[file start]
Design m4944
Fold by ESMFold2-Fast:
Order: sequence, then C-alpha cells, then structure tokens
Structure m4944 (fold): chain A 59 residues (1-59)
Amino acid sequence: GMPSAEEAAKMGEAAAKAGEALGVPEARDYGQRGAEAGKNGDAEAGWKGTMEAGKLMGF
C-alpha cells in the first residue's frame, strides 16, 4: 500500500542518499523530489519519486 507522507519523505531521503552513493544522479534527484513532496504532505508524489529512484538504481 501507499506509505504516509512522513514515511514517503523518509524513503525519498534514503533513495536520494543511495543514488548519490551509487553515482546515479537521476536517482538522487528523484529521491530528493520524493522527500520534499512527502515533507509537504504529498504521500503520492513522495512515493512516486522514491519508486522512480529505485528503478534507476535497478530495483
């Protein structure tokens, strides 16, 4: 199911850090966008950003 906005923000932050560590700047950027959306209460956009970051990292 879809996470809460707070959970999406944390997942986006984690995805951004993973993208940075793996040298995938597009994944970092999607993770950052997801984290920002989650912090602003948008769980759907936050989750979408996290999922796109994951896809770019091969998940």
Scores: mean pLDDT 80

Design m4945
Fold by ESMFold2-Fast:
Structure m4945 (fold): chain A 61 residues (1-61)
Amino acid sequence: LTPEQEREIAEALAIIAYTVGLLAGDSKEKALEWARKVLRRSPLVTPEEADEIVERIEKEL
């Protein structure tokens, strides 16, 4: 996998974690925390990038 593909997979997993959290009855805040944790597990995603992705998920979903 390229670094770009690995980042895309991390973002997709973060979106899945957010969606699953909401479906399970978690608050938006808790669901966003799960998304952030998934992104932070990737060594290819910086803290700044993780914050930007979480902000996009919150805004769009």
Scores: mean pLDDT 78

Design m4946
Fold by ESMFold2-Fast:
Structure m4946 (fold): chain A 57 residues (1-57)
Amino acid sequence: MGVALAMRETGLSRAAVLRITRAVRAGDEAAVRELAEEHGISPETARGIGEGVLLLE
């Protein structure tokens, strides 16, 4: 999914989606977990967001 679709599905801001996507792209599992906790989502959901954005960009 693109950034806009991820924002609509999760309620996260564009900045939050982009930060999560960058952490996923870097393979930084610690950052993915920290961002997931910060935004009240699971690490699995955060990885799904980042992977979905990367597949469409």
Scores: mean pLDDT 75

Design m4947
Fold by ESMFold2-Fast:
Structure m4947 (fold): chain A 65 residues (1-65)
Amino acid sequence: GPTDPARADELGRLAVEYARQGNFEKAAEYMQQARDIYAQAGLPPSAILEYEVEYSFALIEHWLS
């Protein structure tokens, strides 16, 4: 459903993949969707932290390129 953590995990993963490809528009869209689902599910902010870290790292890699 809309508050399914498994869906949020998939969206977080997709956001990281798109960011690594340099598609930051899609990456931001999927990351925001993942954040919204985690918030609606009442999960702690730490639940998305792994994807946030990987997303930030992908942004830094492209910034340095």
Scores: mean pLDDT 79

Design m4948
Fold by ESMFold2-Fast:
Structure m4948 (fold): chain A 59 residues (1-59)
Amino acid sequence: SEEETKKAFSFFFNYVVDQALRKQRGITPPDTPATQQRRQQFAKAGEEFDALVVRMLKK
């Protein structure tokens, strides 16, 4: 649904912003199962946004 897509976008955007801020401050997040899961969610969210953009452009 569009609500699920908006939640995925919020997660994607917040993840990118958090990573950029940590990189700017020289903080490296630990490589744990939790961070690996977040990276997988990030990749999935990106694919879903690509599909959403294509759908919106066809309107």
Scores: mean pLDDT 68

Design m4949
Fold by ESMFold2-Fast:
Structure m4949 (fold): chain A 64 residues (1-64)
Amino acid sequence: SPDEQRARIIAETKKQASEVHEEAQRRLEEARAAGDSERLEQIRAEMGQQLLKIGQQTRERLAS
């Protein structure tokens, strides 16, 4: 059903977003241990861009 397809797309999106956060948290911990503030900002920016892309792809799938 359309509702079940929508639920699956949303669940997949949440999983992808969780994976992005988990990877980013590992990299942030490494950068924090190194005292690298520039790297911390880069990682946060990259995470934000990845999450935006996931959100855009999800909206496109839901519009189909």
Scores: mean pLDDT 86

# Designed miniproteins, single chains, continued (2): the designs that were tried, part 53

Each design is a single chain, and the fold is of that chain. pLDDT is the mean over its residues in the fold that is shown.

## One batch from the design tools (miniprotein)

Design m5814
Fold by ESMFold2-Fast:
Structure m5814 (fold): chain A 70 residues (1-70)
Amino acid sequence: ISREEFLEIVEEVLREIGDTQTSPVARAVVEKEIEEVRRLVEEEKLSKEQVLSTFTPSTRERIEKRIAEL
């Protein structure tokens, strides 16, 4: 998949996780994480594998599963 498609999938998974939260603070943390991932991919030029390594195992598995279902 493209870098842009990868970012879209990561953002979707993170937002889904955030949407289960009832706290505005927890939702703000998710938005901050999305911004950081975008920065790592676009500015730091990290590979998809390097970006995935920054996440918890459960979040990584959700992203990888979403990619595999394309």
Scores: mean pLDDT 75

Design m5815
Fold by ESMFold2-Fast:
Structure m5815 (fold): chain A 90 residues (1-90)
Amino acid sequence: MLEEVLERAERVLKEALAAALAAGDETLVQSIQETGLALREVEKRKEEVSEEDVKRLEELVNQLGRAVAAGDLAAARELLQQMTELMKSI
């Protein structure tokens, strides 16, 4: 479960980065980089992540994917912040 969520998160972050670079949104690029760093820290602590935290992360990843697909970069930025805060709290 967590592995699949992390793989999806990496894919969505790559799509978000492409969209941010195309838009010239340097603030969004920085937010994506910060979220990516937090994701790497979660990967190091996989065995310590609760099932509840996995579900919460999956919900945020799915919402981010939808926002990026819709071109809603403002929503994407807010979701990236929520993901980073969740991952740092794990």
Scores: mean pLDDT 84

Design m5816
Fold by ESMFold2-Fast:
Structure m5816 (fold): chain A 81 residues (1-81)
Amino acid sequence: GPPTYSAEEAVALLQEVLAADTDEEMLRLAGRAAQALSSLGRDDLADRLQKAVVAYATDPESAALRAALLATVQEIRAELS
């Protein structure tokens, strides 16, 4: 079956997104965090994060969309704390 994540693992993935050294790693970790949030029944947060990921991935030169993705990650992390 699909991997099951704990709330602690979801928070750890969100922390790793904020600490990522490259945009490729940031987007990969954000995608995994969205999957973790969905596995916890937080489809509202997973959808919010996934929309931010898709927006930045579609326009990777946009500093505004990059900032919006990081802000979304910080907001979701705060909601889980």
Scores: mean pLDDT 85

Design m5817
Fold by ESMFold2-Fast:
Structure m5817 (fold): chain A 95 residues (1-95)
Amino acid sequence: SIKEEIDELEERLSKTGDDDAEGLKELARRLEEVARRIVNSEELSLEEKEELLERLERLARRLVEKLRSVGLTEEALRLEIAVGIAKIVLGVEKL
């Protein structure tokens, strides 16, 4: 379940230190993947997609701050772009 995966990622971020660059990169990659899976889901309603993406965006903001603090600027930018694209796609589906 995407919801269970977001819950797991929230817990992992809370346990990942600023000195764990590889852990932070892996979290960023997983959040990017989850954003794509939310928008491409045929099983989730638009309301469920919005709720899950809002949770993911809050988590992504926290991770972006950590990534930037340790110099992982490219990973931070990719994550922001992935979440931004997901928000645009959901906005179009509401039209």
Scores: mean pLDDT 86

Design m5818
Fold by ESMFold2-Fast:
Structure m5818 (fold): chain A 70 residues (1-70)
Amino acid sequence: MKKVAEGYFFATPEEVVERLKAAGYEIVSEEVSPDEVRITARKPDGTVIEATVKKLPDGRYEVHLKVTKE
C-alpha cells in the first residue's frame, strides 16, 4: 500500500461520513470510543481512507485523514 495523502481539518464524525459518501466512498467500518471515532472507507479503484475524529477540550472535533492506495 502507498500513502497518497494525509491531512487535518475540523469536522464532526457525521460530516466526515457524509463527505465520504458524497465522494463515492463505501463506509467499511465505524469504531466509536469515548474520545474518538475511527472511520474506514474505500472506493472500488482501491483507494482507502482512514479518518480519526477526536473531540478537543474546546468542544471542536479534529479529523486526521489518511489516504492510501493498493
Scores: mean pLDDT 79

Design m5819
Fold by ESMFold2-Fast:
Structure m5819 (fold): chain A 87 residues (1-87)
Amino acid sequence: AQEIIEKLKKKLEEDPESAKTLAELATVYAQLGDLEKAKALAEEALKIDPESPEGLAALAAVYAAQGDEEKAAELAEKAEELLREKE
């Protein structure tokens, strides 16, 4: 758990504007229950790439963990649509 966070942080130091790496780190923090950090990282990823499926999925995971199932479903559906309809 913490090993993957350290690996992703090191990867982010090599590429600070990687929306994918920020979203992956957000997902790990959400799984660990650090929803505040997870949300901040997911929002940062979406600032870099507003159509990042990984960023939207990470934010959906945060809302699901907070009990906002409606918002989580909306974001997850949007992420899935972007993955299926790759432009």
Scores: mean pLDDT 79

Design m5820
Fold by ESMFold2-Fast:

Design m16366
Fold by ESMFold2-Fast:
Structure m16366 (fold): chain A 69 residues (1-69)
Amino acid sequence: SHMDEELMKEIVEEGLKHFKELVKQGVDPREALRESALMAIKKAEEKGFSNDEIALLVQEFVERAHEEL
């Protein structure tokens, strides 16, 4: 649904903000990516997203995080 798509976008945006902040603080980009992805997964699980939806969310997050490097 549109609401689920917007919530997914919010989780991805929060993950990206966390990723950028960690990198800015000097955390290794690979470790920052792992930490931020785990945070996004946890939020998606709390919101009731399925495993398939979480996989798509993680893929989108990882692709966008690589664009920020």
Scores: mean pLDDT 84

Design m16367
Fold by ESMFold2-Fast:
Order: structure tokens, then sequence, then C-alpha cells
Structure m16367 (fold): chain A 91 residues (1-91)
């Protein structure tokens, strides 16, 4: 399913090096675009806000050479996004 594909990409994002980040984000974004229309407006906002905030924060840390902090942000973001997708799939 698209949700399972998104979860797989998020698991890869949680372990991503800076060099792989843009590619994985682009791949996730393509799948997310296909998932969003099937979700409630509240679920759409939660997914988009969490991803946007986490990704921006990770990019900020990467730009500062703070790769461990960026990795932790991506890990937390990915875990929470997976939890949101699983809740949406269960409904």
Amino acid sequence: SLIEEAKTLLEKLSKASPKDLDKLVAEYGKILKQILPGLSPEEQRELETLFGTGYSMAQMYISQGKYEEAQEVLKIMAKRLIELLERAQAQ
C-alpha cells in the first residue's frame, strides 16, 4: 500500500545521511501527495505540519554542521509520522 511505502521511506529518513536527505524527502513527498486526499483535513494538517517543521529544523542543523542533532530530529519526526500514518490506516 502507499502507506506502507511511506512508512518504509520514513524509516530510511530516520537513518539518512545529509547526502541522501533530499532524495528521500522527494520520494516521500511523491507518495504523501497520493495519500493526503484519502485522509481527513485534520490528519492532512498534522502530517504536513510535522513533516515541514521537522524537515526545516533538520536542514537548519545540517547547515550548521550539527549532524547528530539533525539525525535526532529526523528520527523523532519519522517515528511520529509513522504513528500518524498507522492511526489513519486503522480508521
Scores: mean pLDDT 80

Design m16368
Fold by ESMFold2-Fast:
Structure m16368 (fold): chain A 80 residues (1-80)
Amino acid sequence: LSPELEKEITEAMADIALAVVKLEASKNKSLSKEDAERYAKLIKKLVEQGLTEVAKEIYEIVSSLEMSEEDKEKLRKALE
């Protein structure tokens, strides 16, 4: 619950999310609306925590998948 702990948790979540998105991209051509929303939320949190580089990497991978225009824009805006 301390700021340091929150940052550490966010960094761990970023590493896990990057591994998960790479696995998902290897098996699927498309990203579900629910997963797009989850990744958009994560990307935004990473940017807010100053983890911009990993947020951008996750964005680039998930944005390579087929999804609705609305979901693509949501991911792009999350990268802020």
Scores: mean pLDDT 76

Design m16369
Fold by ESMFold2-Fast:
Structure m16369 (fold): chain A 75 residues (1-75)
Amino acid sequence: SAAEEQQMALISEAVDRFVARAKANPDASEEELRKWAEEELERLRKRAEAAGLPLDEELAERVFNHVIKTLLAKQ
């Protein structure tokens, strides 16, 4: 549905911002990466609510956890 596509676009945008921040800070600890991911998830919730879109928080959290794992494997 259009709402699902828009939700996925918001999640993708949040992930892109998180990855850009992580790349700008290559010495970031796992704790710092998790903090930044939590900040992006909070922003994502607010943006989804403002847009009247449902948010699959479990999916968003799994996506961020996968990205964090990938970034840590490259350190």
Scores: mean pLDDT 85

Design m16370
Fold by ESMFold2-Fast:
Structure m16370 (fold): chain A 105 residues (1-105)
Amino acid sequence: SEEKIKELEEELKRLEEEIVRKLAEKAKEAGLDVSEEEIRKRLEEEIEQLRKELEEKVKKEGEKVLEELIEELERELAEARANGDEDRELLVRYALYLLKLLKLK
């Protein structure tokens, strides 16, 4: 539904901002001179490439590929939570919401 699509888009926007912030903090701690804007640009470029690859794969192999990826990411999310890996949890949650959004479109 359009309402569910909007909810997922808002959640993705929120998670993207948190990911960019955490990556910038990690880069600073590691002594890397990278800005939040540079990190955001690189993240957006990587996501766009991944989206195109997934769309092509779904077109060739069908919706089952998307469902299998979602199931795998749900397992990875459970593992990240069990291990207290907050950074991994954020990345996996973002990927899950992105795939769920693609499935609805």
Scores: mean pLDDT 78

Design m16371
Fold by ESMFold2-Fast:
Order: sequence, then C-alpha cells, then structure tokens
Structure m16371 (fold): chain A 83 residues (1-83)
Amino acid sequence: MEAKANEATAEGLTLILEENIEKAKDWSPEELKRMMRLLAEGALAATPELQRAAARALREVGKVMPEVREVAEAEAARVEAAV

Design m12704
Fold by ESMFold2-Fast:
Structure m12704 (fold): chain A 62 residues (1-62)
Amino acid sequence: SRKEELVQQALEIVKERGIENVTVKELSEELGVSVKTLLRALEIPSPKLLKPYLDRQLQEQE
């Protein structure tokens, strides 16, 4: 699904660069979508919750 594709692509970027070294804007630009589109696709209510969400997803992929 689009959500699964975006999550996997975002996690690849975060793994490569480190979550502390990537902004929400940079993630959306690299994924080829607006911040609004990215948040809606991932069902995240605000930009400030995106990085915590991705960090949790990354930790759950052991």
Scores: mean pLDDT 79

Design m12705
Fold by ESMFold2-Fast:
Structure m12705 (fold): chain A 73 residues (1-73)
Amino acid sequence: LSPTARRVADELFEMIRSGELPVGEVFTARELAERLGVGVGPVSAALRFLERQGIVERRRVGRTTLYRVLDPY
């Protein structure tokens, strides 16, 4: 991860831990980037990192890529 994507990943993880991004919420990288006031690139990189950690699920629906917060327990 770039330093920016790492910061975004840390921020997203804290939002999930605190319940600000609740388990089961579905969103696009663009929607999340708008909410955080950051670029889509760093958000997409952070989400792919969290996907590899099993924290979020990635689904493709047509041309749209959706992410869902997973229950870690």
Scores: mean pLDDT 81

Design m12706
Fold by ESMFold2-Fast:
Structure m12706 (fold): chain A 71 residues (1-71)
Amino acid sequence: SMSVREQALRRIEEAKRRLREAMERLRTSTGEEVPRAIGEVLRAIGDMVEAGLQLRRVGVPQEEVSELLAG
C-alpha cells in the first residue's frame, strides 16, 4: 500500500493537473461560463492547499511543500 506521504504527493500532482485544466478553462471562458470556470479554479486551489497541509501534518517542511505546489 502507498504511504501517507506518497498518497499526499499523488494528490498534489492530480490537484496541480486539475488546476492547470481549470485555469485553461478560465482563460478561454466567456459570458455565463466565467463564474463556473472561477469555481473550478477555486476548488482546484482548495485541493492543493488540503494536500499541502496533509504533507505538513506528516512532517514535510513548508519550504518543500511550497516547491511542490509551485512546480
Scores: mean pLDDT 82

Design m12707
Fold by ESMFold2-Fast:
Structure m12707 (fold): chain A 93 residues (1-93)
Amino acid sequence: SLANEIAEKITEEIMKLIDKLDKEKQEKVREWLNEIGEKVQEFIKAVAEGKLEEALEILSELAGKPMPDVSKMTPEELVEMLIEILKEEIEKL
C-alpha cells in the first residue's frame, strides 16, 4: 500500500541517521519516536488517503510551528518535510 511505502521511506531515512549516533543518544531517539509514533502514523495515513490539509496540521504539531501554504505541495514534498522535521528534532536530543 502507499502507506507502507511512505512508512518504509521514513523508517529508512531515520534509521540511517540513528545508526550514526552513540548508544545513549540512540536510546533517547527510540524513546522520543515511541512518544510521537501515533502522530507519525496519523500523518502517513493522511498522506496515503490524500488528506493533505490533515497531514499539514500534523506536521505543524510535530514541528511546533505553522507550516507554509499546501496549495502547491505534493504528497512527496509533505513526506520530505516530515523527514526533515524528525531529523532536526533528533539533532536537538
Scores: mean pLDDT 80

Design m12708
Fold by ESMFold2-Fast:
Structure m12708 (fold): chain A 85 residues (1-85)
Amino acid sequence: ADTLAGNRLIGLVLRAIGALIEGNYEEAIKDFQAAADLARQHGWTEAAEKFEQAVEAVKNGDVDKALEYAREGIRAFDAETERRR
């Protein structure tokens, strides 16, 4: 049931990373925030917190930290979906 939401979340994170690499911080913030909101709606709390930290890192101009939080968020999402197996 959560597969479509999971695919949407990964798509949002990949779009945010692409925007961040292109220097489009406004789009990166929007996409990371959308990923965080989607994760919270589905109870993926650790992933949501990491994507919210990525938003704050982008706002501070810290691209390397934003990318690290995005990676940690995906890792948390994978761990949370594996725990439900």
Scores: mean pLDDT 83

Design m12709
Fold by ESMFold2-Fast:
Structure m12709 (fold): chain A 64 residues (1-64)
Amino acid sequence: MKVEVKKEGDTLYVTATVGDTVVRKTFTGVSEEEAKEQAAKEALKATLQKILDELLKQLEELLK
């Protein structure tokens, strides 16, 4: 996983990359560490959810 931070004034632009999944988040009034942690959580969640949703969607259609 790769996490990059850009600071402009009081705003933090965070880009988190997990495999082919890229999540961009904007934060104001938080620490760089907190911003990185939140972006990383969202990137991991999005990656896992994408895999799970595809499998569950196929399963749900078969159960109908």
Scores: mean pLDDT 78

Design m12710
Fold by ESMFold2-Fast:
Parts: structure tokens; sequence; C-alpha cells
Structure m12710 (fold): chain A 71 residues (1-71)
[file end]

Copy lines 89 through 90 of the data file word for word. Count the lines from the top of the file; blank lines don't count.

Structure m16367 (fold): chain A 91 residues (1-91)
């Protein structure tokens, strides 16, 4: 399913090096675009806000050479996004 594909990409994002980040984000974004229309407006906002905030924060840390902090942000973001997708799939 698209949700399972998104979860797989998020698991890869949680372990991503800076060099792989843009590619994985682009791949996730393509799948997310296909998932969003099937979700409630509240679920759409939660997914988009969490991803946007986490990704921006990770990019900020990467730009500062703070790769461990960026990795932790991506890990937390990915875990929470997976939890949101699983809740949406269960409904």